1977 - United States

An acronym for California Highway Patrol, this US cop-series starred Erik Estrada as devil-may-care Officer Francis 'Ponch' Poncherello and Larry Wilcox as the more down to earth Officer Jonathan Baker.

Together the twosome patrolled (on motorbikes) the highways and byways around the vast Los Angeles freeway system where the action was divided between enforcing the law and eyeing the City of Angels' foxy ladies. Typical of its time the series downplayed the violent aspect of a policeman's lot to concentrate on the 'human interest' and humorous elements of their work although the action was beefed up with auto-crashes galore. Motor officers in CHiPs rode Kawasaki Z1-P and Z900-C2 police motorcycles in seasons 1 and 2, and KZ1000-C1 motorcycles from season 3 onwards.

CHiPs TV series

The show was conceived by Rick Rosner, a reserve deputy with the Los Angeles County Sheriff’s Department. During a coffee break on an evening patrol shift in the mid-1970s, he observed two young CHP officers on motorcycles, which sparked the idea for a series. The production team utilized recently completed, yet unopened, freeways in the Los Angeles area. Later, when these freeway sections were finally accessible, production shifted to a short segment of the 710 Long Beach Freeway in Long Beach, California, as well as a lengthy stretch of Pershing Drive near Los Angeles International Airport.

Artistic liberties were taken with the storyline since real-life CHP motor officers rarely ride in pairs. Initially, this discrepancy was explained by placing Ponch on probationary status, with Jon serving as his field training officer. Eventually, by the end of the first season, this subplot faded away as audiences grew accustomed to seeing the two working seamlessly as a team.

CHiPs TV series

Despite using stunt doubles for distant shots and various action sequences, Wilcox and Estrada actively participated in their own motorcycle riding and performed numerous smaller stunts. While Wilcox emerged relatively unscathed, Estrada suffered several injuries throughout the series. It’s hardly surprising when you consider that prior to joining the cast of CHiPs, Estrada had no prior experience with motorcycles and had to undergo an intensive eight-week course to learn how to ride. He didn’t actually obtain a full motorcycle licence until well after the series concluded, and even then, he passed the test on his third attempt. His most severe accident occurred during the filming of a season three episode in August 1979, resulting in several fractured ribs and broken wrists. This accident and Estrada’s subsequent hospitalization were seamlessly woven into the series’ storyline.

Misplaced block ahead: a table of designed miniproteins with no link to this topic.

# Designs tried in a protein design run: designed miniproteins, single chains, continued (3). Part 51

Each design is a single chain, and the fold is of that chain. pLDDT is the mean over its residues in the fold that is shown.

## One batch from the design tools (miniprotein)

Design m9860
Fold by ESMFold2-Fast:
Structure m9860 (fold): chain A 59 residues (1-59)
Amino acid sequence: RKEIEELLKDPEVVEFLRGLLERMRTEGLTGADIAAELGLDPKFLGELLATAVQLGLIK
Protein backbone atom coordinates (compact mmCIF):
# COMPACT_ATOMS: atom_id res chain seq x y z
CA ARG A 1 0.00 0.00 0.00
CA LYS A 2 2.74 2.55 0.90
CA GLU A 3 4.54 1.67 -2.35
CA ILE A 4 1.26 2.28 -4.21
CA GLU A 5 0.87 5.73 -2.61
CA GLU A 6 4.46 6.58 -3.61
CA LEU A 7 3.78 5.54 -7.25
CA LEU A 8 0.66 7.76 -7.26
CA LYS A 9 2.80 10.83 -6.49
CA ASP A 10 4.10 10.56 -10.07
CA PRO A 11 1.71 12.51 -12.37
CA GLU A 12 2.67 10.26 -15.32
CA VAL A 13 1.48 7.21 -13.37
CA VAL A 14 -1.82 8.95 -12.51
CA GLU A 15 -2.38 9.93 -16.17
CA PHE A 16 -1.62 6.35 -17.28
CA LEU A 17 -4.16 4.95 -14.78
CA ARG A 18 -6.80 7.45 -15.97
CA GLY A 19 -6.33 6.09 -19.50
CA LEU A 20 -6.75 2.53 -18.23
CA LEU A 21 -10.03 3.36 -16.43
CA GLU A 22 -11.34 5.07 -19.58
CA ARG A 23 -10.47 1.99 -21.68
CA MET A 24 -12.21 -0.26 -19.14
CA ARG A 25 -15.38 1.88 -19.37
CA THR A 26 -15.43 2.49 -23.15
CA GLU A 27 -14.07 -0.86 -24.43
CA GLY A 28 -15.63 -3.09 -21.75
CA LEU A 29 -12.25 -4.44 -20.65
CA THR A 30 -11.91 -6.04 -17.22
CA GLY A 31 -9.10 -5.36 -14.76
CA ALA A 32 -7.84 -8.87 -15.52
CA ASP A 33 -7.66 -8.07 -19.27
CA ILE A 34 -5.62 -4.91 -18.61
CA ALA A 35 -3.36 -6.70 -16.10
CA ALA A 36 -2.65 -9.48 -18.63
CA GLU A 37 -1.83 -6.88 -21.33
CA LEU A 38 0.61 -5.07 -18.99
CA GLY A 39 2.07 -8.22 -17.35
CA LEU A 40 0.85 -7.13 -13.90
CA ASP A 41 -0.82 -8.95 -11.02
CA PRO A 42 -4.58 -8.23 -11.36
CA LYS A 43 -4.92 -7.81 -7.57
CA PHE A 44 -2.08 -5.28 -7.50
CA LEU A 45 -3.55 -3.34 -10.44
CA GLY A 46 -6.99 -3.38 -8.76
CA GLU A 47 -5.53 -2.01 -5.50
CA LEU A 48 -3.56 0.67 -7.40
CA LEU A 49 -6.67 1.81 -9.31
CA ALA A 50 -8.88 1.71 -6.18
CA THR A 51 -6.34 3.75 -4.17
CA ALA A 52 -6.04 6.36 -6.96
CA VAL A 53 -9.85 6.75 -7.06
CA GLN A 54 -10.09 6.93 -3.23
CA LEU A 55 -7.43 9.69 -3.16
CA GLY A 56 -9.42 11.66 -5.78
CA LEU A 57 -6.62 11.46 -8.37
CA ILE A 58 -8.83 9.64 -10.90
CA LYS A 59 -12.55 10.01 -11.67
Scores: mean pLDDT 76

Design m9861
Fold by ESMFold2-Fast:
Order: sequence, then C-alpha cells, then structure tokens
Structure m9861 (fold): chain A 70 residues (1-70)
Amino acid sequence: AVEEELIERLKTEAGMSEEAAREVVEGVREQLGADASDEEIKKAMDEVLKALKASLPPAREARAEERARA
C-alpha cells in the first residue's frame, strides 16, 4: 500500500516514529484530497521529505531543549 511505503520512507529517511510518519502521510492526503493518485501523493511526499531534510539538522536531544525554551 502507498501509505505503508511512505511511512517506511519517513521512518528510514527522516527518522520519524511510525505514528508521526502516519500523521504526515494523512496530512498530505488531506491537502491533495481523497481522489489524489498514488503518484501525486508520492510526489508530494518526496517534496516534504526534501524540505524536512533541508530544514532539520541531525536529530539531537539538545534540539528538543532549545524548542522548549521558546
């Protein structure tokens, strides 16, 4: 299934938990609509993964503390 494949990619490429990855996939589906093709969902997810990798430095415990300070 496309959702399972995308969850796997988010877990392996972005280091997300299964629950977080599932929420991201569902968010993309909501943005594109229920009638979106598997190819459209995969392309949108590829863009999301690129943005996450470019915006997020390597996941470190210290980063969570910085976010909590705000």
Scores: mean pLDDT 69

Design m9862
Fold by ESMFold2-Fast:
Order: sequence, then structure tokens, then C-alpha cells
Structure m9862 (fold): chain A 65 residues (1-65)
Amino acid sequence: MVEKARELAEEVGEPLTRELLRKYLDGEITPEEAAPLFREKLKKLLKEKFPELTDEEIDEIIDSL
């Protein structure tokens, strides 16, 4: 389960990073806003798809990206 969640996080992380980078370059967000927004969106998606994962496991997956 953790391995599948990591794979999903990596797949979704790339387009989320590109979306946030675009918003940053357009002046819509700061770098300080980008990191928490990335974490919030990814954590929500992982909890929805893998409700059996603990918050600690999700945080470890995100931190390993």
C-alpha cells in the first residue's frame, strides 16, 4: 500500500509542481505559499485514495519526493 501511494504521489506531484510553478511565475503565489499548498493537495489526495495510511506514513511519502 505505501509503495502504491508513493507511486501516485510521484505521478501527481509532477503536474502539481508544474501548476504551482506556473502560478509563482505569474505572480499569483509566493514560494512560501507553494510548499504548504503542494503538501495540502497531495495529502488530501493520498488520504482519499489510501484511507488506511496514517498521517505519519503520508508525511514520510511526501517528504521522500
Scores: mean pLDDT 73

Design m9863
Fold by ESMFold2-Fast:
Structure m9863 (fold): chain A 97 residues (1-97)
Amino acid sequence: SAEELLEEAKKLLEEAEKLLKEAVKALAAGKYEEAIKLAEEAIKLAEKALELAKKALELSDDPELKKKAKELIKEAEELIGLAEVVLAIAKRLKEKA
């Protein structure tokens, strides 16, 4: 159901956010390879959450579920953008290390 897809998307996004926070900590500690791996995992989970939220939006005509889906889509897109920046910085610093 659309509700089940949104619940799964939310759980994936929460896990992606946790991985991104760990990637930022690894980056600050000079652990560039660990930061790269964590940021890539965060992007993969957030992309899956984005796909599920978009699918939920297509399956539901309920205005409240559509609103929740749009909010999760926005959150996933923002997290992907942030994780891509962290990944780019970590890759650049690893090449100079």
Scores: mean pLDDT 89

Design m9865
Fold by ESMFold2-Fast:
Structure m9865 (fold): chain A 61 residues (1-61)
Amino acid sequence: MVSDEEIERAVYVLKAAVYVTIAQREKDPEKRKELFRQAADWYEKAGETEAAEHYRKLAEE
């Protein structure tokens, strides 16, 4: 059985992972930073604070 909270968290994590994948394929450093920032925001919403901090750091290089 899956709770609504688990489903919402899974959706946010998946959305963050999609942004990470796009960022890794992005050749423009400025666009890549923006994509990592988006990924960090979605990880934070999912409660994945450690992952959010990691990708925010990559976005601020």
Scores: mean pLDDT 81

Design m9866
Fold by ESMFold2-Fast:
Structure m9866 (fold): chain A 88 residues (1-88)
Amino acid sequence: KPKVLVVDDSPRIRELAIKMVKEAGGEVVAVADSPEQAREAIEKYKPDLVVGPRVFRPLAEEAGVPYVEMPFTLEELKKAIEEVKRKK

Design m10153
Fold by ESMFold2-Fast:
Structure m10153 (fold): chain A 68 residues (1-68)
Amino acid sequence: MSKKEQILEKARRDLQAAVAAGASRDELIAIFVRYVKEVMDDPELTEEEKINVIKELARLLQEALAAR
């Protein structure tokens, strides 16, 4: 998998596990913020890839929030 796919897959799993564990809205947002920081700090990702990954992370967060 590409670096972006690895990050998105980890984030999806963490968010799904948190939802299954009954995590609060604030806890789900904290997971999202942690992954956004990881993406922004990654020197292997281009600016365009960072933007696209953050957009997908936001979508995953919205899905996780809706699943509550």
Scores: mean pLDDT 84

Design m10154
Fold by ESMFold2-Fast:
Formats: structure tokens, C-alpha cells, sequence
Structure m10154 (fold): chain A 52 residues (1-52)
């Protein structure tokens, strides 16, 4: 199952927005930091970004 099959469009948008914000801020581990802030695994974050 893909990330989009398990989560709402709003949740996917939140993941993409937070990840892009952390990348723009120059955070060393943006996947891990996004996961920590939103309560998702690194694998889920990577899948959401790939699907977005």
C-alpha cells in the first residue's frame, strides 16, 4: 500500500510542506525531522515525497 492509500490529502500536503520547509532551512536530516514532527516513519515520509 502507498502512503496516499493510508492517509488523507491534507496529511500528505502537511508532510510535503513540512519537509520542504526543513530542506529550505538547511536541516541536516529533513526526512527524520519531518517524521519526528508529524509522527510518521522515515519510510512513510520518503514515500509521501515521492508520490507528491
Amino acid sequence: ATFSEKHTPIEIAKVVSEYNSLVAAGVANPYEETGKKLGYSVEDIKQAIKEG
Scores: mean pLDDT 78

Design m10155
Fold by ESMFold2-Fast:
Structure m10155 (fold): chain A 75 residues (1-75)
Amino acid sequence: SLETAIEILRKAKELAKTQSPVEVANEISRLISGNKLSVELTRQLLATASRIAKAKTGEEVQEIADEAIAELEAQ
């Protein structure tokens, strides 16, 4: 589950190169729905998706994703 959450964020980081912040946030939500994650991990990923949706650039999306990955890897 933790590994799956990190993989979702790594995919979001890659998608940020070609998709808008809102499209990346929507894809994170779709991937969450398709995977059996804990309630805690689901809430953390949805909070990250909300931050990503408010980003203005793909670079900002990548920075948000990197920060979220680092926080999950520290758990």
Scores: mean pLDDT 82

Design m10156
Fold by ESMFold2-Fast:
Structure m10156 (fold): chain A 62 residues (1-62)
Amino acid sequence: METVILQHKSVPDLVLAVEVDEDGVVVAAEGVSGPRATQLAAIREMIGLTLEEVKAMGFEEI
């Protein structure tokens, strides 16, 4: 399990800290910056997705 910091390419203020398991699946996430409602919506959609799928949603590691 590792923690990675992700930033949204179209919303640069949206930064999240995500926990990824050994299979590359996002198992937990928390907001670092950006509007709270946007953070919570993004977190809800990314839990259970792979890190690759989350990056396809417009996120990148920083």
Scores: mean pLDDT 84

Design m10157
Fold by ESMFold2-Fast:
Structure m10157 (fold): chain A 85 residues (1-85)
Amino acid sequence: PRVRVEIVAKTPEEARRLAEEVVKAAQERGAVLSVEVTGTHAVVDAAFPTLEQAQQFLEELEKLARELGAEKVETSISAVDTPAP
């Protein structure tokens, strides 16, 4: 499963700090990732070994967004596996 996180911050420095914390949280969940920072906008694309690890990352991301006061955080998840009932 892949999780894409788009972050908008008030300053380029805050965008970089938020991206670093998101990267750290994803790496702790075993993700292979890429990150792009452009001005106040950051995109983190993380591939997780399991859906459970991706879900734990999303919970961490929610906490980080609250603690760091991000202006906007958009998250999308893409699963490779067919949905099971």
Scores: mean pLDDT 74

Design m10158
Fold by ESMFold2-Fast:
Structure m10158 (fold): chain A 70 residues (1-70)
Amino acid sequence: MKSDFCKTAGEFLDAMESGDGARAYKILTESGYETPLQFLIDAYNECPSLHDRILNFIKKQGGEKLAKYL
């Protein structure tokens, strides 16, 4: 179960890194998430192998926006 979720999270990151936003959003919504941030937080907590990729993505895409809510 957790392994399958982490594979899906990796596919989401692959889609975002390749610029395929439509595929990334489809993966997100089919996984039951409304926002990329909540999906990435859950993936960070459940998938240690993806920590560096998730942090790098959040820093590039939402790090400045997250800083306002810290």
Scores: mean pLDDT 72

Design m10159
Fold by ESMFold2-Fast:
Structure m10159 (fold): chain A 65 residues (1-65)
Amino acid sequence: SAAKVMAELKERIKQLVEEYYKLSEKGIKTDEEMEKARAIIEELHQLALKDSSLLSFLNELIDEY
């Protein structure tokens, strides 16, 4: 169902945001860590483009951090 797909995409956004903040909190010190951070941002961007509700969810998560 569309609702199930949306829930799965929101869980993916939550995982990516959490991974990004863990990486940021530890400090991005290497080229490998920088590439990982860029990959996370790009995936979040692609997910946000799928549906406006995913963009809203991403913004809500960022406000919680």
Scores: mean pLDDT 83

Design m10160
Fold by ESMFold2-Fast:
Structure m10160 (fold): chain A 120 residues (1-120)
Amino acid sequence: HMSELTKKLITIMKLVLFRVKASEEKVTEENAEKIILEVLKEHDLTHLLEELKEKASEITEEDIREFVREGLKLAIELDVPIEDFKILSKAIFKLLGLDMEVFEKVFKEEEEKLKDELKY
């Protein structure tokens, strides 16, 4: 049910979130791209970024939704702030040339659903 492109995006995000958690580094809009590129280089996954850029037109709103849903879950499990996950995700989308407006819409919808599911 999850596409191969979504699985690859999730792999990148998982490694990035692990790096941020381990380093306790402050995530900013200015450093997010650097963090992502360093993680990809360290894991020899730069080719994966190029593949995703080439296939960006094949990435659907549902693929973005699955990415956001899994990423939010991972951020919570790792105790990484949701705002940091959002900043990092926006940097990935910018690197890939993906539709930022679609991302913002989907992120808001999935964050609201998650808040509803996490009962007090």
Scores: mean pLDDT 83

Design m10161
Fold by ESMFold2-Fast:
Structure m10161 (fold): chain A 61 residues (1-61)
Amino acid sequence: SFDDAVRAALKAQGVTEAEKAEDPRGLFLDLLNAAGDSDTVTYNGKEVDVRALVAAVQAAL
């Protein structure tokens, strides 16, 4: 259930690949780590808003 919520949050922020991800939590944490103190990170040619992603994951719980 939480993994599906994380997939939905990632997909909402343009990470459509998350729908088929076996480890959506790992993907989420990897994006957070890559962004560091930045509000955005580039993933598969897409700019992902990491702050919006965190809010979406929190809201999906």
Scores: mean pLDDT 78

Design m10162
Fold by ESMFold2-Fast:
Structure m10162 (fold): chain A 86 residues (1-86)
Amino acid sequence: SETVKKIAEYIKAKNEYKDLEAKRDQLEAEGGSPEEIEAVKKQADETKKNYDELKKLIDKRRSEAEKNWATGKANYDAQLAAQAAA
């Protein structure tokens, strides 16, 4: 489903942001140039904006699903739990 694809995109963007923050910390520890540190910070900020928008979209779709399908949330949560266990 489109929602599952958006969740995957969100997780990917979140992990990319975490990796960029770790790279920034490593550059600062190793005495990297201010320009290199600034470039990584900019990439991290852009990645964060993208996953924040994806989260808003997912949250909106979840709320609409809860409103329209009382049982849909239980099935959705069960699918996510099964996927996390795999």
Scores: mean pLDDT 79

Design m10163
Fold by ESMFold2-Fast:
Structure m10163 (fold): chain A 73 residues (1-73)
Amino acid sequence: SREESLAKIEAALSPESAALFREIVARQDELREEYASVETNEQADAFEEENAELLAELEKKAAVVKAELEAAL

Ponch, being the more trouble-prone of the pair, contrasted with Jon, who was generally the one trying to keep him out of mischief. Their gruff yet fatherly immediate supervisor, Sergeant Joseph Getraer (played by Robert Pine), was also a pivotal character. Michael Dorn, who would go on to find success in Star Trek: The Next Generation, starred as Officer Turner from 1979 to 1982.

CHiPs TV series

Estrada fell out with the studio over pay and was replaced by former Olympic decathlon champion Bruce Jenner as Officer Steve McLeish, but this proved a temporary absence and Estrada returned. However, Wilcox then left permanently (rumour has it the two stars never saw eye to eye) and in 1983 the series was cancelled. However, the format was revived for CHiPs '99, a 1998 one-off made-for-television film and a sequel to the series. Both stars returned in the roles. A film remake was released in March 2017 with Michael Peña as Ponch and Dax Shepard as Jon. The film has an approval rating of 19% based on 113 reviews and an average rating of 3.7/10 on the review aggregator website Rotten Tomatoes.

In addition to its entertainment value, CHiPs (the series) also played a significant role in promoting motorcycle safety and raising awareness about the California Highway Patrol. The show even featured PSA segments at the end of each episode in the US, reinforcing important messages about wearing helmets, obeying traffic laws, and staying safe on the road. It was hardly a ground-breaking series but its combination of action-packed drama, dynamic characters and solid storylines made it an entertaining series of good old-fashioned television.

Published on April 9th, 2024. Written by Laurence Marcus for Television Heaven.

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